6. Learned counsel for the respondents on the other hand submitted that the question of giving option to the accused in compliance with Section 50 of the Act is subject to the condition that the accused 'requires' that he be searched in the presence of a Gazetted Officer or a Magistrate but where the accused does not so 'require' for whatever reason his conviction would not stand vitiated, in case the option was not given to him. A similar argument had been advanced in Balbir Singh case1 and the Bench repelled the same after a detailed discussion and observed : (SCC p. 316, para 16) "The words 'if the person to be searched so desires' are important. One of the submissions is whether the person who is about to be searched should by himself make a request or whether it is obligatory on the part of the empowered or the authorised officer to inform such person that if he so requires, he would be produced before a Gazetted Officer or a Magistrate and thereafter the search would be conducted. In the context in which this right has been conferred, it must naturally be presumed that it is imperative on the part of the officer to inform the person to be searched of his right that if he so requires to be searched before a Gazetted Officer or a Magistrate. To us, it appears that this is a valuable right given to the person to be searched in the presence of a Gazetted Officer or a Magistrate if he so requires, since such a search would impart much more authenticity and creditworthiness to the proceedings while equally providing an important safeguard to the accused. To afford such an opportunity to the person to be searched, he must be aware of his right and that can be done only by the authorised makes it obligatory on the authorised officer to inform the person to be searched of his right." (emphasis supplied) We respectfully agree with the above observations and reject the submission made on behalf of the respondents.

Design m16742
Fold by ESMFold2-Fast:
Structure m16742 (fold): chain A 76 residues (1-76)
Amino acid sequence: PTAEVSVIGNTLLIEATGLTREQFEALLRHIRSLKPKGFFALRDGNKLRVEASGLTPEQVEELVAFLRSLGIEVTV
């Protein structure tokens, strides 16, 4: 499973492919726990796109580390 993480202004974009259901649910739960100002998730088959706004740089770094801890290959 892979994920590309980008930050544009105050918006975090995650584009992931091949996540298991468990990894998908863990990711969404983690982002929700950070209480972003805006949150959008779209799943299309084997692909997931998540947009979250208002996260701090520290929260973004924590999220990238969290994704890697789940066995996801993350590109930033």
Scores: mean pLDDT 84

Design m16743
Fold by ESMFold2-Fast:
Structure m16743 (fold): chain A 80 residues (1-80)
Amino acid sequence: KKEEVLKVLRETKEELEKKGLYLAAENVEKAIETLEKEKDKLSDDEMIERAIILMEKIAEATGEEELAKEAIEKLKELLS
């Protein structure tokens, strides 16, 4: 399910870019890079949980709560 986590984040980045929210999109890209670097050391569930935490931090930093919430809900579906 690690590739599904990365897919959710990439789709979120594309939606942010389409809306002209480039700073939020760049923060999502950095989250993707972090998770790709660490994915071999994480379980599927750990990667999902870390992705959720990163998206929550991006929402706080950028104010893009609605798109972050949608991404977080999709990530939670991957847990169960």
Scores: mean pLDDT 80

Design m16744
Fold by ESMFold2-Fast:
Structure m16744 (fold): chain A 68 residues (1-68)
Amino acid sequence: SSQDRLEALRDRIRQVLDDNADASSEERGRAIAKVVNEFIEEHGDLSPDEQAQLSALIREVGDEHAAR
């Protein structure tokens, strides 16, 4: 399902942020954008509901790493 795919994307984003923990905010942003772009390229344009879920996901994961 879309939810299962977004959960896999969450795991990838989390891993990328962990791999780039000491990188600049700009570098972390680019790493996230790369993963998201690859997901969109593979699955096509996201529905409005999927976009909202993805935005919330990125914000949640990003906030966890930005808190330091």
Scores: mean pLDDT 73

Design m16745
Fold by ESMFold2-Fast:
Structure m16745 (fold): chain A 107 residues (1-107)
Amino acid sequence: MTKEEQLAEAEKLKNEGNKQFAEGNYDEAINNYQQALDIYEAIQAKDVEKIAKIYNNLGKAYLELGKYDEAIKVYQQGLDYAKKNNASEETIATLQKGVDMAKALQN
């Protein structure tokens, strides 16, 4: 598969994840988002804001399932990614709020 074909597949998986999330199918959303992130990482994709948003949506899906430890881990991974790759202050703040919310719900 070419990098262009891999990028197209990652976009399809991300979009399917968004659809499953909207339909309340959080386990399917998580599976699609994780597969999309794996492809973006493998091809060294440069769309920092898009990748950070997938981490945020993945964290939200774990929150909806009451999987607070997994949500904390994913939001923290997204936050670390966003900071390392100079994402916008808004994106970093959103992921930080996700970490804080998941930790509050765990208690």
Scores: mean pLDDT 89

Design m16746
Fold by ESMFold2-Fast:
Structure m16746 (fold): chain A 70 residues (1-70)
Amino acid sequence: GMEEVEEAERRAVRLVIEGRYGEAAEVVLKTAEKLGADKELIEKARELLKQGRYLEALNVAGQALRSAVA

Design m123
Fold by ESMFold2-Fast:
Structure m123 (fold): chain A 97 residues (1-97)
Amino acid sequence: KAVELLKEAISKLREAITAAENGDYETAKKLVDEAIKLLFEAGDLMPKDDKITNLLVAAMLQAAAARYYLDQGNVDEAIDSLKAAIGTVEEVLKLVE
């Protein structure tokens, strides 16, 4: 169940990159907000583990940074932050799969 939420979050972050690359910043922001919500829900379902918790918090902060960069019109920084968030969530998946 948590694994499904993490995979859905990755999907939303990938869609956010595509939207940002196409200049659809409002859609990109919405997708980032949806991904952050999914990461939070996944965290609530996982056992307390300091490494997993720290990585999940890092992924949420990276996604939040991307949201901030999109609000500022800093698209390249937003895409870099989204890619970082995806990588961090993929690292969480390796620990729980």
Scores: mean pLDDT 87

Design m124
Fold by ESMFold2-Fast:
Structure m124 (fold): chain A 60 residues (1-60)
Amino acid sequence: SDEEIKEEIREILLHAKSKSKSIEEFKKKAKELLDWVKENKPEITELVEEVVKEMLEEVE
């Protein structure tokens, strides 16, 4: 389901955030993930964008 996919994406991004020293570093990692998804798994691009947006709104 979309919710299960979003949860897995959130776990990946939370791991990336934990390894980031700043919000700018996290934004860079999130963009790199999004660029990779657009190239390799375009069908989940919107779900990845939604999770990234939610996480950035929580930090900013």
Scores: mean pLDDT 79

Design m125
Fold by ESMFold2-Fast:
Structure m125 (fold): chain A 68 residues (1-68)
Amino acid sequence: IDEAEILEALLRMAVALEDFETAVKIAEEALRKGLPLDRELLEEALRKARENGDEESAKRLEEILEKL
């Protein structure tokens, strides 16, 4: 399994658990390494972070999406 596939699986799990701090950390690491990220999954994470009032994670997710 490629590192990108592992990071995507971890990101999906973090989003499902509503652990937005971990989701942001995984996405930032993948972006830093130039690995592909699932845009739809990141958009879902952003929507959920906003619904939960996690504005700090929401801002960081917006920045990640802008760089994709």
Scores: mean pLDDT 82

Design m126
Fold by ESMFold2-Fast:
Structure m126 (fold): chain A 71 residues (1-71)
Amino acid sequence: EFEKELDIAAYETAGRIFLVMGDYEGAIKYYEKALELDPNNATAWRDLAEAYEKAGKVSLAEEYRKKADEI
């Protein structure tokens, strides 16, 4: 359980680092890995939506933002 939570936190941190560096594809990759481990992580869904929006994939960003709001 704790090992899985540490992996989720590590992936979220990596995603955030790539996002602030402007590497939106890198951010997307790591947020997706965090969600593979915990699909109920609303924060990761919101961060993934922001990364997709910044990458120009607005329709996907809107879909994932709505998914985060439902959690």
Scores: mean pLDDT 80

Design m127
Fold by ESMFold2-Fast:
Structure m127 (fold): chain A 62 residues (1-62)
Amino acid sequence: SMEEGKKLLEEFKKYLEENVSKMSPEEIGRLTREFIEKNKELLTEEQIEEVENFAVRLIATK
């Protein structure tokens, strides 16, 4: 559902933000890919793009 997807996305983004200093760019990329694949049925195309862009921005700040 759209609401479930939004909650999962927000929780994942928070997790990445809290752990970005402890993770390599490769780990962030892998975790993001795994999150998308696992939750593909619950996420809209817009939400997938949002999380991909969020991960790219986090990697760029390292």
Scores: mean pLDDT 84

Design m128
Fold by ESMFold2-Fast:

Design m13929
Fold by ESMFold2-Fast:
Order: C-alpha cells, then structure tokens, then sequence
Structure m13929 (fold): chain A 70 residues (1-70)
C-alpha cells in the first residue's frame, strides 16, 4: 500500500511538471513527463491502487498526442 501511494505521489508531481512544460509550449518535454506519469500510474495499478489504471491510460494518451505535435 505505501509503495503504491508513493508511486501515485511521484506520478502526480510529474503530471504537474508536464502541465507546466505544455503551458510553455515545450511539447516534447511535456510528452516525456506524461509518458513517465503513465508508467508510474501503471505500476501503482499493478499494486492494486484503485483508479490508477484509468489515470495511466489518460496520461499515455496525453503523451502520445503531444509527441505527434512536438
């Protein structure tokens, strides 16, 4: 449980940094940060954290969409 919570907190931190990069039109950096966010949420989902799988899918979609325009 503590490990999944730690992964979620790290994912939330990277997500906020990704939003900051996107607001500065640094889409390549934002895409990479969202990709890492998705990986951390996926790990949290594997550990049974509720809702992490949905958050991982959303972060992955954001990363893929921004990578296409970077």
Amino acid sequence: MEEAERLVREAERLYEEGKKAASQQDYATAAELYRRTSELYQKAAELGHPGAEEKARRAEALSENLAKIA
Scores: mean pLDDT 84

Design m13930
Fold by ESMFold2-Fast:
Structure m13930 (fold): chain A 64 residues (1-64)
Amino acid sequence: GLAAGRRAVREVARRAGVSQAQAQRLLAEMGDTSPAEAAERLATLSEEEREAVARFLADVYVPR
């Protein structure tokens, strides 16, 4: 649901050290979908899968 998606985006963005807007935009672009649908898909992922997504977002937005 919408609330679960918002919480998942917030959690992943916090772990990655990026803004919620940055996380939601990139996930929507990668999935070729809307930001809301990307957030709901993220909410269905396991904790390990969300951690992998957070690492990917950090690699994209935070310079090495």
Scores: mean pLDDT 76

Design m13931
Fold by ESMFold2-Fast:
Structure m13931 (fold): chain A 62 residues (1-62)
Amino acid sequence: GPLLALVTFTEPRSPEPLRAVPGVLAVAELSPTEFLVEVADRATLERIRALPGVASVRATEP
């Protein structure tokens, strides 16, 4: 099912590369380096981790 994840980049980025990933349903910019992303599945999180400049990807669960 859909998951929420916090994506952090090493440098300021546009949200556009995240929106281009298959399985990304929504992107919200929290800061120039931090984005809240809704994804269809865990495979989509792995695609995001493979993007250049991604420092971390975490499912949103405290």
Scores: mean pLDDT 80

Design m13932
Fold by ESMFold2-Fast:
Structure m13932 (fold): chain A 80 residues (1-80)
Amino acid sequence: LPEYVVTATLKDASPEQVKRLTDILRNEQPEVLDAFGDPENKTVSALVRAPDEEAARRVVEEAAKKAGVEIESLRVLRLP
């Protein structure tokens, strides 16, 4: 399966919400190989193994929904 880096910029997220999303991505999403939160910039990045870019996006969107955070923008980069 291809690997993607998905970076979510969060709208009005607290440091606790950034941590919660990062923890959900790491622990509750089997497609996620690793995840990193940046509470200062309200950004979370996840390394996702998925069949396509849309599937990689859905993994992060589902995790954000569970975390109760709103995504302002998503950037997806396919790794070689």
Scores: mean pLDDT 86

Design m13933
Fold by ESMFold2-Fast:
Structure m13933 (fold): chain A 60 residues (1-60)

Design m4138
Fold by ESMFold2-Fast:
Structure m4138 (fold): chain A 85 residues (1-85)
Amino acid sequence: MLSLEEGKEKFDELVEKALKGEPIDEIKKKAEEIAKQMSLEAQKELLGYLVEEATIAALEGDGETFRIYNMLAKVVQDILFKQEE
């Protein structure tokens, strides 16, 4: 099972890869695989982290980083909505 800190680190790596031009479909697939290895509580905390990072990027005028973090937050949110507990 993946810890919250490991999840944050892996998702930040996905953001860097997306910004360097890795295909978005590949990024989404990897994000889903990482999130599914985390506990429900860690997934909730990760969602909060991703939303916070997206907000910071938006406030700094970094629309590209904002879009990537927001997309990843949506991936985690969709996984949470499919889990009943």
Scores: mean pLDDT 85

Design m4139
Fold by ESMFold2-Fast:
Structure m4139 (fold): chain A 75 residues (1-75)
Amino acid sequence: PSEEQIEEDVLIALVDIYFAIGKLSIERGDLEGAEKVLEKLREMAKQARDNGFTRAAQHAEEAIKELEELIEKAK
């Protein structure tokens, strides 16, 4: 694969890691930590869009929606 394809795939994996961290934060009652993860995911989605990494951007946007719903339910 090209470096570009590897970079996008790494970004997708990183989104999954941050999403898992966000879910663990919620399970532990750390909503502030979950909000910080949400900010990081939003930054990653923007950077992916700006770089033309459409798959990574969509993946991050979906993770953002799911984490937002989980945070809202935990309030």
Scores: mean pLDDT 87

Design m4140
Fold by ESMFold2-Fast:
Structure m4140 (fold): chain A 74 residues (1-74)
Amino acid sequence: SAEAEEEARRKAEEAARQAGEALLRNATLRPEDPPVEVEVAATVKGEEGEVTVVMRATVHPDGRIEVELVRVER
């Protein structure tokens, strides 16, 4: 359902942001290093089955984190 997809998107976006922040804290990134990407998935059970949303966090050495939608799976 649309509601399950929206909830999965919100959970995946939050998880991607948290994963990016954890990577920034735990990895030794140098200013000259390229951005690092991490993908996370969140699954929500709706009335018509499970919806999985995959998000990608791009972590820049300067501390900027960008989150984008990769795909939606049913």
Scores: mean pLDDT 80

7. Learned counsel for the respondents then submitted that the judgment in Balbir Singh case1 requires reconsideration.

We cannot agree. There are no compelling reasons advanced by the learned counsel for the respondents for the reconsideration of the judgment in Balbir Singh case 1.

572